IBM announces the IBM 305 RAMAC (Random Access Memory Accounting) mainframe, a computer as large as two refrigerators, containing the new 350 Disk Storage Unit, the world’s first hard disk drive. The nearly-six-foot-high drive consists of a huge metal case surrounding a towering stack of 50 double-sided magnetic platters, adding up to a total capacity of four megabytes. In 1958, IBM will introduce the option to double capacity by adding a second stack of drive platters to the casing. The 305 RAMAC and 350 Disk Storage Unit together weigh over a ton, and are leased to IBM’s clients for $3,200 per month.
Under the direction of President Eisenhower, the U.S. Department of Defense establishes a high-tech think tank, the Advanced Research Projects Agency (ARPA), to conduct scientific and technological research with both national security implications and purely for technological advancement. The formation of ARPA is a direct response to the Soviet launch of the Sputnik satellite, and in the years ahead ARPA will lay the cornerstone of what will later become known as the Internet, as well as making significant strides in space science, though the space-related part of ARPA’s initial charter will later be transferred to a new agency called NASA. As the Cold War heats up, ARPA will be renamed DARPA (Defense Advanced Research Projects Agency) and its slate of R&D projects will become almost entirely military-oriented.
Implementing a revolutionary new take on an idea that has existed on paper since the 1940s, recently-hired Texas Instruments engineer Jack Kilby demonstrates the first fully-functional integrated circuit, with all of the electronic components encased in germanium. While the U.S. Air Force immediately places an order for TI’s new integrated circuits, other engineers continue to refine Kilby’s invention, with Fairchild Semiconductor producing ICs encased in silicon. The move to silicon for ICs leads to smaller electronic devices and the development of microcomputer technology.
At the 1962 Open House held at the Massachusetts Institute of Technology, a student programming project is unveiled on the school’s new DEC PCP-1 computer. In an attempt to demonstrate the machine’s real-time processing power in a context that can be understood by the general public, Steve Russell and his cohorts allow visitors to play the first computer game, Spacewar. The product of months of design and hundreds of man-hours of coding, Spacewar allows two players to navigate their way around the gravity of a sun while trying to blow each other to bits (as displayed on a round oscilloscope). Never patented or copyrighted, Spacewar goes on to “inspire” countless copies, including one of the earliest coin-operated arcade video games, Computer Space.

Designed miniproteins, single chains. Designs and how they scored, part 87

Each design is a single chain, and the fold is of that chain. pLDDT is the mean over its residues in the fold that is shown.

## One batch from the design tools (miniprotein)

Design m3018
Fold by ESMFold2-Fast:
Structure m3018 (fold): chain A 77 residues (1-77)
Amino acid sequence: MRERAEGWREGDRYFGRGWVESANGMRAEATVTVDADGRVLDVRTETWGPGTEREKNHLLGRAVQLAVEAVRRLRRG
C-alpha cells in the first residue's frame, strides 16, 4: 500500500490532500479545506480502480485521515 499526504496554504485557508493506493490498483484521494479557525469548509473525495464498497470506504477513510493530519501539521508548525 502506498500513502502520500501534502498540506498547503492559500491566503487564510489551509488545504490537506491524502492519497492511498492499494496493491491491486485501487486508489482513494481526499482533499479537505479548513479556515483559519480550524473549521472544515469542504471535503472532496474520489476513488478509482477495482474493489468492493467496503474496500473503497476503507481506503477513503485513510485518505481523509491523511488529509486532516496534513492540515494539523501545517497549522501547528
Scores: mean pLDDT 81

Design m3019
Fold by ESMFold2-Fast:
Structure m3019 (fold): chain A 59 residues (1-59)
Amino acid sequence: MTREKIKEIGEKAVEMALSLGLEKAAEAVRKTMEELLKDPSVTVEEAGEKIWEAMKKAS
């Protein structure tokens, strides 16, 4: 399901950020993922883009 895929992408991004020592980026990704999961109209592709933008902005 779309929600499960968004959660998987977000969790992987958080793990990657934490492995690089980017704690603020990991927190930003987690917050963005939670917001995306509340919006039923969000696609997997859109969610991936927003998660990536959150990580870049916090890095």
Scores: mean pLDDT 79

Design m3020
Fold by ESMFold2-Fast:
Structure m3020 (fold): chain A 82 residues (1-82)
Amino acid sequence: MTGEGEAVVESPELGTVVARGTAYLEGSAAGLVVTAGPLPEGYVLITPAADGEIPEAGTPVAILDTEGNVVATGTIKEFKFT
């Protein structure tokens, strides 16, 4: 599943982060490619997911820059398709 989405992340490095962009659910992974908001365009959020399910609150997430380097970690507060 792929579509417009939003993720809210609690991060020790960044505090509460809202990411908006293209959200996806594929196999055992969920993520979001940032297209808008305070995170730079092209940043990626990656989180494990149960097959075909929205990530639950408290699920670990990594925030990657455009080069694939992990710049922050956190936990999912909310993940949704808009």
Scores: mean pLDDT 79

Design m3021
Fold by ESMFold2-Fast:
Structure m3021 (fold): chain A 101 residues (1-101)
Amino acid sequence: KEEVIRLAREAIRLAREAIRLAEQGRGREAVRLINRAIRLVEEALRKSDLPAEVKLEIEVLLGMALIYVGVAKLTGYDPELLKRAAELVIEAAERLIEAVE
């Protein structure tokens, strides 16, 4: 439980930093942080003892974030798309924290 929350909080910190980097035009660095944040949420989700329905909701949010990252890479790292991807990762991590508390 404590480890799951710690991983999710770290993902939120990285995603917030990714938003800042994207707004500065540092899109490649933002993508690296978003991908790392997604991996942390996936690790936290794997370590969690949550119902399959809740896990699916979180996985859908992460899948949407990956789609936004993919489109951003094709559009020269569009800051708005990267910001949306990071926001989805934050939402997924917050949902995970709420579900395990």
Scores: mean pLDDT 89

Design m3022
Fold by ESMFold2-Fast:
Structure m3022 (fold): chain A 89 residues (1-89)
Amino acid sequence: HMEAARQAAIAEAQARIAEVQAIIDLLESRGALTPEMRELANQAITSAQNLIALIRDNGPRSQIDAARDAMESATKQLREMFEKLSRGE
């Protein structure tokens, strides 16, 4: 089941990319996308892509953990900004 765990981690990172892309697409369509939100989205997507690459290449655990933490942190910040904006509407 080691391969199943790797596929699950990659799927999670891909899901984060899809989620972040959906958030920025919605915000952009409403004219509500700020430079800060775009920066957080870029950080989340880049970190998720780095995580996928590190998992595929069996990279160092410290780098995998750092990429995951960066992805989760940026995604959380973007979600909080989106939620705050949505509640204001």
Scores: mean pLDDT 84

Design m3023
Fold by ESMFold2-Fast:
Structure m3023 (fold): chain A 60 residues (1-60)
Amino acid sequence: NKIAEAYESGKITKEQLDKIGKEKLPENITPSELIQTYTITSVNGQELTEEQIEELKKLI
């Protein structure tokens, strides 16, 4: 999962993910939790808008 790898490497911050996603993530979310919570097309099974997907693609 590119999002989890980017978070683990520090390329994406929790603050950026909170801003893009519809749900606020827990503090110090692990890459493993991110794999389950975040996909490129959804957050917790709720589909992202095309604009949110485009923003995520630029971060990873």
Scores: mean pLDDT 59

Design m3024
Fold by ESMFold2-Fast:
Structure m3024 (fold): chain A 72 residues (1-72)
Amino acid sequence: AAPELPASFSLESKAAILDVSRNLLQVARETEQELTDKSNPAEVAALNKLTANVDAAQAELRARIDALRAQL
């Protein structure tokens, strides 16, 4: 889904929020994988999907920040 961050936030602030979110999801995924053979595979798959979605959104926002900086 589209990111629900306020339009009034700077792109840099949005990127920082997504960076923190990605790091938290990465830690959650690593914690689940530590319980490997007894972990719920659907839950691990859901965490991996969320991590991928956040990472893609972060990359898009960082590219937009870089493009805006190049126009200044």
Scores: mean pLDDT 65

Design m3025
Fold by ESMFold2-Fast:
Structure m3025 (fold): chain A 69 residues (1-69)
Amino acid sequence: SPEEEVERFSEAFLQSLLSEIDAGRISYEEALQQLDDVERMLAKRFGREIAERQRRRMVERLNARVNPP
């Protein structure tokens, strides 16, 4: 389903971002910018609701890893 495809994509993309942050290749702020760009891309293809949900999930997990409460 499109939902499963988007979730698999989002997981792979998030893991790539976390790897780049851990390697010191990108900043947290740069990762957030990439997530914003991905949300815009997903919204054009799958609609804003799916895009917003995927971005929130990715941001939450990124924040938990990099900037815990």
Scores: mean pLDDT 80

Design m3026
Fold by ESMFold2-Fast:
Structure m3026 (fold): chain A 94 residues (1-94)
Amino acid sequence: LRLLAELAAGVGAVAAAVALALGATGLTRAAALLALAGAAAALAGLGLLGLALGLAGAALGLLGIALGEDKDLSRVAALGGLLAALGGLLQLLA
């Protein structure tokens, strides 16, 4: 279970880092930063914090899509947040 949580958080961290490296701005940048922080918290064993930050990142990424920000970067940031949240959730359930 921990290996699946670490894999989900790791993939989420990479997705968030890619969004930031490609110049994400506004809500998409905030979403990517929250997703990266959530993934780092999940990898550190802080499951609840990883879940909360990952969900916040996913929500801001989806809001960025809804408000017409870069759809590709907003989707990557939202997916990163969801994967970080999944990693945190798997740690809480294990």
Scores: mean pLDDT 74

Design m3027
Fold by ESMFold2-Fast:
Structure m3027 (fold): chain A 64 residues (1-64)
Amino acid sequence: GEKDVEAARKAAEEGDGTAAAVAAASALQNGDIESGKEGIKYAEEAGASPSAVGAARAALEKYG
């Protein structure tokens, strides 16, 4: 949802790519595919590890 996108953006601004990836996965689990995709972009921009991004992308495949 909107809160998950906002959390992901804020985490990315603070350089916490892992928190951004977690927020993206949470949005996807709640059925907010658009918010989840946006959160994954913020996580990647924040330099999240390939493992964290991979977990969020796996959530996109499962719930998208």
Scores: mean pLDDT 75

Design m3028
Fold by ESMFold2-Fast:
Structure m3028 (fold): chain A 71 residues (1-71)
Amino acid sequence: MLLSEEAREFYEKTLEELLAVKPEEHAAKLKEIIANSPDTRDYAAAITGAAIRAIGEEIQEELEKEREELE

In the Hillsboro Press-Gazette, ENIAC and UNIVAC co-creator Dr. John Mauchly predicts that there will come “a time when everyone will carry his own personal computer”, even going so far as to anticipate portable “hand computers” used for such tasks as interactive shopping lists. Mauchly’s predictions aren’t 100% accurate, however: by the 21st century, groceries do not arrive via delivery chutes in every home, and he fails to anticipate the use of “hand computers” to access social networks or view amusingly captioned photos of cats.
At the Fall Joint Computer Conference held at the San Francisco Convention Center, computer visionary Douglas Englebart demonstrates a collaborative computer system loaded down with groundbreaking technologies: the first computer mouse, driving a point-and-click object-oriented graphical user interface, bitmapped graphics, hypertext, real-time video conferencing, and a live networked collaborative space. Decades later, computer historians give this event – billed in the conference program as “a research center for augmenting human intellect” – a new name: the mother of all demos.
Computer engineer and recent MIT graduate Ray Tomlinson, working on the nascent ARPANET project, adds minor new features to an experimental file transfer protocol and, in so doing, sends the first network e-mail. This first message doesn’t have far to travel – it arrives at another computer terminal in the same room – but it is the beginning of e-mail on ARPANET, a feature which is adopted so widely and so quickly that it accounts for 75% of all ARPANET data traffic just two years later. Tomlinson is also credited for inventing the user@destination e-mail address format.
IBM introduces the Model 3340 hard disk drive system for its System/370 mainframe computers. Housed in a large casing similar to a combined washer and dryer, this is the birth of modern hard disk technology, with read and write heads integral to the drive itself rather than being mounted on an arm which reaches into the drive casing. The 3340’s removable modules, each containing drive platters and the read/write heads, can be swapped out with other modules containing other drives. IBM ships the 3340 with two maximum storage capacities: 35 megabytes or 70 megabytes; the unit is internally called a Winchester hard drive, a case of a code name that sticks well beyond development. The 3340 is available through 1984.